What If Your Child Isn’t Hungry in the Morning for Breakfast?
In our first “Listener Mailbag” article, Dr. Steve lets you know what’s going on & what you can do
by Steve Silvestro, MD @zendocsteve
You can also listen to this article as a podcast on your favorite podcast app or click on the player below:
I’m excited to announce a new feature of The Child Repair Guide—The Listener Mailbag!
I get asked questions from listeners all the time. And while I can’t provide individual medical advice, some of the parenting topics that listeners ask me are often on subjects that I know many of you might be dealing with or curious about, too. So, from time to time, I’ll be sharing listener questions and the answers I give with you as a podcast & also as an article here on drstevesilvestro.com.
If you have a parenting question you’d like featured (and answered!) on The Child Repair Guide Podcast, you can submit it one of two ways:
1). Follow me on Instagram @zendocsteve and send me a DM,
2). Call The Child Repair Guide Listener Mailbag line at 1-202-455-5665, leave a voicemail, and your recording will be incorporated into a future episode of The Child Repair Guide Podcast.
*Please note that I cannot give personalized medical advice, and a live person will not be answering the phone number above.
This first question is one that I get asked quite often: What to do if your child isn’t hungry in the morning for breakfast?
Hi Dr. Steve!
I have a question about breakfast. Frequently my older daughter (6yrs) complains that her tummy hurts in the morning and doesn’t want to eat breakfast. Normal stools, she’s gaining weight and growing, generally a good eater, no signs that something is “really wrong.” On the weekends, when everyone wakes up on their own versus to the alarm clock, she usually seems to be fine about eating (usually weekend pancakes!).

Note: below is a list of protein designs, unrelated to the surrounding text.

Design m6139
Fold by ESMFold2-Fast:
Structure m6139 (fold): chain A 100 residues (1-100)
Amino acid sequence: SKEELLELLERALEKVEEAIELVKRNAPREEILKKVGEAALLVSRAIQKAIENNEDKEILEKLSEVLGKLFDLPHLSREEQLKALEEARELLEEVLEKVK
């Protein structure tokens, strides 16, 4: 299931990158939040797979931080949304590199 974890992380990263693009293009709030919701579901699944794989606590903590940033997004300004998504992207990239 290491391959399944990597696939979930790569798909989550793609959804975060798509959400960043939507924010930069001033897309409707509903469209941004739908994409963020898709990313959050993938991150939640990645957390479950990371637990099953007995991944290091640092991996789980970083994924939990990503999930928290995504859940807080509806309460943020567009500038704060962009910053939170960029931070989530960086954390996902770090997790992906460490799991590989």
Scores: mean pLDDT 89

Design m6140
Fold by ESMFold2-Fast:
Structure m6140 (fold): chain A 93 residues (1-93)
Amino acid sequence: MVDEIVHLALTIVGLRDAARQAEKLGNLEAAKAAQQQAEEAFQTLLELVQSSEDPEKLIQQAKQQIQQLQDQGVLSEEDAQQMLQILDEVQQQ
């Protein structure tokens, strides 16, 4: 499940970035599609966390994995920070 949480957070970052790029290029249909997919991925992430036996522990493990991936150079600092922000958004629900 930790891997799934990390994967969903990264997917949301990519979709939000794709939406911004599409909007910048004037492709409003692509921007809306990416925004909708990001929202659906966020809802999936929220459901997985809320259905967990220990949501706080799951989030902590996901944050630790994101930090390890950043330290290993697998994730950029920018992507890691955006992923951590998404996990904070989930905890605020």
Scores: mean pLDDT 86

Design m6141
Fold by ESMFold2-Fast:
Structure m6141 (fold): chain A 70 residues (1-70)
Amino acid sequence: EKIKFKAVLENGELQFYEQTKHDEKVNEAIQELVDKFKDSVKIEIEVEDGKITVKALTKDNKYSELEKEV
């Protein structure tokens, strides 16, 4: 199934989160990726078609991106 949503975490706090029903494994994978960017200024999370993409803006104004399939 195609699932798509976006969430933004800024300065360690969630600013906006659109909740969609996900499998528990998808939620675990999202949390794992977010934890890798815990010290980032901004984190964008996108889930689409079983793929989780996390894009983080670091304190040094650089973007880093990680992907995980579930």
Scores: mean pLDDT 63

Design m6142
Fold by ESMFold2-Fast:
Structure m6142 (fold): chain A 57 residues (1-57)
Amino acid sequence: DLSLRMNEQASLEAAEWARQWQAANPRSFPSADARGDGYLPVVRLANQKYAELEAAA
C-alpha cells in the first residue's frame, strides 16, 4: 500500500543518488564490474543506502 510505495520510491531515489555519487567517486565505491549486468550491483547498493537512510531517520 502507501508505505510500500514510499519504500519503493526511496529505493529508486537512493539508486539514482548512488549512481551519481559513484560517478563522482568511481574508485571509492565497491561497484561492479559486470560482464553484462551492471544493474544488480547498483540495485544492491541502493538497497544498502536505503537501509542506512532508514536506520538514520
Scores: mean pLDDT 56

I’m a strong believer in breakfast, but also know that a) you can’t force kids to eat and, b) different people’s systems handle early mornings differently. While I myself wake up starving at any hour, my husband, for example, needs to wake up a bit before he’s ready to eat. I also wonder if maybe it’s psychological. I don’t want to start a routine of skipping breakfast, I also don’t want to have a fight each morning.
Hi, Erin—thanks for writing!
This is actually a question that I get a lot, so you’re not alone! There are a handful of reasons why your daughter might not be hungry when she wakes up on schooldays, and they’re all okay:
- It could be that she’s still not done fully digesting what she’d eaten the night before. This could fit with the fact that she’s usually fine when she gets to sleep a little later on weekends. There are a handful of factors that go into determining how quickly food moves along through the gut, including the types of food eaten, how full the bowels are already, and the balance of good bacteria in the gut.
- Another factor is that digestion is really turned on when we are resting, so the GI tract is in high gear overnight. This could leave some people with an excess of stomach acid when they first wake up in the morning, leading to tummy pain or nausea.